English. But the enforcers can`t decide between Chicano
    and Latino).  Students and teachers were to discuss
    “research and programs being developed to give voice to
    Latinos on a local, national and international level.”

    The stated purpose: to promote the “global
    perspective of Chicano (a)/Latino (a) scholars.”

  • Asian Diaspora: a
    “forum for critical dialogue on issues,

    concerns
    and problems relevant to

    Asian Diaspora
    .”
    The brochure proudly pointed
    out that this was the “first ever-Asian Diaspora”
    pre-conference in the 44-year history of the A.E.R.C.

  • African Diaspora:
    offered “historical research on people of African
    descent who are involved in adult and continuing

    education
    and “a forum for critical
    dialogue among students of African ancestry on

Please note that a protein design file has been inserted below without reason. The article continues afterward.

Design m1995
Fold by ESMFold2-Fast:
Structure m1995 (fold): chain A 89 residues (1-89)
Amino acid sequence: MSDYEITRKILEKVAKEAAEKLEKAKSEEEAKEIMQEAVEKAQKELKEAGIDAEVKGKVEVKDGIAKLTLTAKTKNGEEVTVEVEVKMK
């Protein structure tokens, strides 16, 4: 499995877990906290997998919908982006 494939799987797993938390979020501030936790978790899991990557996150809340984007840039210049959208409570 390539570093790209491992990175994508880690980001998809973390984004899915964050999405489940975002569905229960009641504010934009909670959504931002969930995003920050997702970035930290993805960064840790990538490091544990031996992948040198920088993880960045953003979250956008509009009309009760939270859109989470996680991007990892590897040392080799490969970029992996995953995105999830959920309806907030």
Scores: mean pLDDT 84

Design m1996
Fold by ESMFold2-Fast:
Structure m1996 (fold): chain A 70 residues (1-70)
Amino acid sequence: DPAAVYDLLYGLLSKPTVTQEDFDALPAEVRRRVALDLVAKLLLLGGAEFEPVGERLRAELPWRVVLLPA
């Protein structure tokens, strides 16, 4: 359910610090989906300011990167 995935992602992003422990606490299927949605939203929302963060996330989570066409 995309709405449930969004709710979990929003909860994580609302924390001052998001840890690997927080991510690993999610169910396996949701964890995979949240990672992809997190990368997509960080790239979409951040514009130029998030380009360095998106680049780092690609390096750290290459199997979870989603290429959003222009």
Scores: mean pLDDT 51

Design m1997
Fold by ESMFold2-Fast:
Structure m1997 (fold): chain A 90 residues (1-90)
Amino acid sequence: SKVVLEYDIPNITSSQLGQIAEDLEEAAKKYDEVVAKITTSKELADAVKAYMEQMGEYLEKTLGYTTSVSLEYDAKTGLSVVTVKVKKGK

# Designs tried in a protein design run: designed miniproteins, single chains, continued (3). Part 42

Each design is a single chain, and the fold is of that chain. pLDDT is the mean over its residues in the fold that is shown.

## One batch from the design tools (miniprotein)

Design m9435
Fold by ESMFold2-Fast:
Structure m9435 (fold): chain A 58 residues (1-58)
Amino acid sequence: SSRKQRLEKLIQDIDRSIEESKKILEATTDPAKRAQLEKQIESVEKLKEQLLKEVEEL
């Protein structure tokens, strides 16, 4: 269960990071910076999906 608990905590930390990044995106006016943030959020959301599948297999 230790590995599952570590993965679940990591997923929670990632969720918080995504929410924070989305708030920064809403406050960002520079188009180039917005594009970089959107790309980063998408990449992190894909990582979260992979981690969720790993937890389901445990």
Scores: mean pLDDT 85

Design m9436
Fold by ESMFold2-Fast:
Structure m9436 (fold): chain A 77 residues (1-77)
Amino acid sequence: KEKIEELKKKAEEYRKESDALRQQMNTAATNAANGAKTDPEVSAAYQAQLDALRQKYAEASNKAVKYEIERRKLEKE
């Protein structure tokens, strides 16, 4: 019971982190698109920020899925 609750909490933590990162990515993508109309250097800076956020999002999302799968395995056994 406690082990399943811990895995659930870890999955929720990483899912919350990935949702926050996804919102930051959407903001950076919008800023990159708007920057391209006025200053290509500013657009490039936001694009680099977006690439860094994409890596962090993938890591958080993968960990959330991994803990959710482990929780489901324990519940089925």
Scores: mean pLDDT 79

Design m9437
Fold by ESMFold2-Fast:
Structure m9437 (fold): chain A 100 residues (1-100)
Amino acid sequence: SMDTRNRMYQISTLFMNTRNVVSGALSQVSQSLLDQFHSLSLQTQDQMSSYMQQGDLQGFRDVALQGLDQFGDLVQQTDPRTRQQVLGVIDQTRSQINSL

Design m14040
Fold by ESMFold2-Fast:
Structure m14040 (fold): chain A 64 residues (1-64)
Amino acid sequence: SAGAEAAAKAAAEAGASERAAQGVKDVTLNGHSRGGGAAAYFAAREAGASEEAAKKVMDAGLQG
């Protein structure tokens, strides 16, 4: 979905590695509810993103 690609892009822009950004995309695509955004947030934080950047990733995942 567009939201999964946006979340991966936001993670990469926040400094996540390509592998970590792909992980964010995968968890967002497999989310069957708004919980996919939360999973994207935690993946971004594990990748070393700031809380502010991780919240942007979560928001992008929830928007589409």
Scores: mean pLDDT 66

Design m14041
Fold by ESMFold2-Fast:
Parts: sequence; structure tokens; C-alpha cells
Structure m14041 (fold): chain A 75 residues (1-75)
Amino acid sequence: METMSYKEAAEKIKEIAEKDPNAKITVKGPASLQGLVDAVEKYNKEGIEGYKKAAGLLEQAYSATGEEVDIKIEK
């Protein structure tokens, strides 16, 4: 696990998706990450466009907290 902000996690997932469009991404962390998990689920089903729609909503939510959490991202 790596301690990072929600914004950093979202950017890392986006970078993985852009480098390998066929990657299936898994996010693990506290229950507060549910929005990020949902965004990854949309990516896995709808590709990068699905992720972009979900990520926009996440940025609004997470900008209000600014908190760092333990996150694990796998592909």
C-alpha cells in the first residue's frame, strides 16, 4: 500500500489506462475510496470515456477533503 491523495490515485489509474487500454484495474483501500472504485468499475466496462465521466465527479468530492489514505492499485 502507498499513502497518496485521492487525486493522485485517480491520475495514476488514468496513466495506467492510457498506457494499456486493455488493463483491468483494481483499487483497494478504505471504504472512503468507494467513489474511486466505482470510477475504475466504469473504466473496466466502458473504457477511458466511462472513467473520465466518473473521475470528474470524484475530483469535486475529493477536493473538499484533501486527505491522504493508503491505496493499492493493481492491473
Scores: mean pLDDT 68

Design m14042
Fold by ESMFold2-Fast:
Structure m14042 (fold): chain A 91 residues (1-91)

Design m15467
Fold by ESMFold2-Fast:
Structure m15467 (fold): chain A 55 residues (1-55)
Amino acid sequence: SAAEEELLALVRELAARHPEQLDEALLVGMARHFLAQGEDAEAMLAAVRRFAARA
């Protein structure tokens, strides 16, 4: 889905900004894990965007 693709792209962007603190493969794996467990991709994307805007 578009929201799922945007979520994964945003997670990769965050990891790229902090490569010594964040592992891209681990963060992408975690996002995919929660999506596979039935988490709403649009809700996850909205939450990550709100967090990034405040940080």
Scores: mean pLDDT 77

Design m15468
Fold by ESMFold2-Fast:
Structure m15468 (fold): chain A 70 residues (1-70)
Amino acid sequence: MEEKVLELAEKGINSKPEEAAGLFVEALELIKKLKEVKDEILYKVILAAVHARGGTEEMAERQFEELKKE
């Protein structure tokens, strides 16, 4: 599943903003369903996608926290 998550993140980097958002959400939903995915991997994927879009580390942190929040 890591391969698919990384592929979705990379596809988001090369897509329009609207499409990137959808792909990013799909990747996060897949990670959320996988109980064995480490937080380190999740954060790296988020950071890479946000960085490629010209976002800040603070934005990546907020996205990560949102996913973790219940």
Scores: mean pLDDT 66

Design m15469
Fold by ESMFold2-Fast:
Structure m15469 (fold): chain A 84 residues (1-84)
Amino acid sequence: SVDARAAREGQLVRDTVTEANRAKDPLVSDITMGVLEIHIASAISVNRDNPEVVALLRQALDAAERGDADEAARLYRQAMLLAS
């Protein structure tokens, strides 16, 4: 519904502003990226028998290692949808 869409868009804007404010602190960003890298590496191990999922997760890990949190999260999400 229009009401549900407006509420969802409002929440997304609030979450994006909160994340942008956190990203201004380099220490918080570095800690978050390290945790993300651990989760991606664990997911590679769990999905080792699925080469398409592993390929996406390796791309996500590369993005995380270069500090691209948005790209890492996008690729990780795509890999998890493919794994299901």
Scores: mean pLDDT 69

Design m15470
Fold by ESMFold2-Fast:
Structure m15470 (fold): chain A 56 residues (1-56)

practical and theoretical issues.”



  • Indigenous People
    : “First Indigenous Scholarship
    Pre-Conference”
    ever (!), would “collectively
    and experientially explore Indigenous Scholarship to
    understand and articulate how knowledge in our

    cultures
    is created, sustained and for what purpose
    perpetuated.”
      Students to “dialogue” about
    the “development of pedagogues [sic] which
    honor our

    worldviews
    .”
    (I`m not getting it but since I am
    not going to enroll in the Indigenous Pre-Conference,
    it doesn`t really matter.)

  • Lesbian, Gay, Bi-sexual, Transgender, and
    Queer
    : 10th
    Anniversary (!) of the LGBTQ Caucus. Questions asked
    but not necessarily answered included “Have Queer
    Communities

    replaced
    family/citizenship/democracy?”
    And
    this incomprehensible triumph of Edspeak: “How do
    Queer communities engaged in sense making beyond
    hetero/homo duality reconstruct

    social differences
    in meaningful ways?”
     
    Morning presentations on LGBTQ issues were to be
    “followed by a walking tour of

    “the Castro”,
    San Francisco`s most famous `gay
    neighborhood.`”
    Your tax dollars at work!

By this time, I realized that the principal – an
all-around good guy – was having a few laughs at my
expense. He is fully aware that given my choice between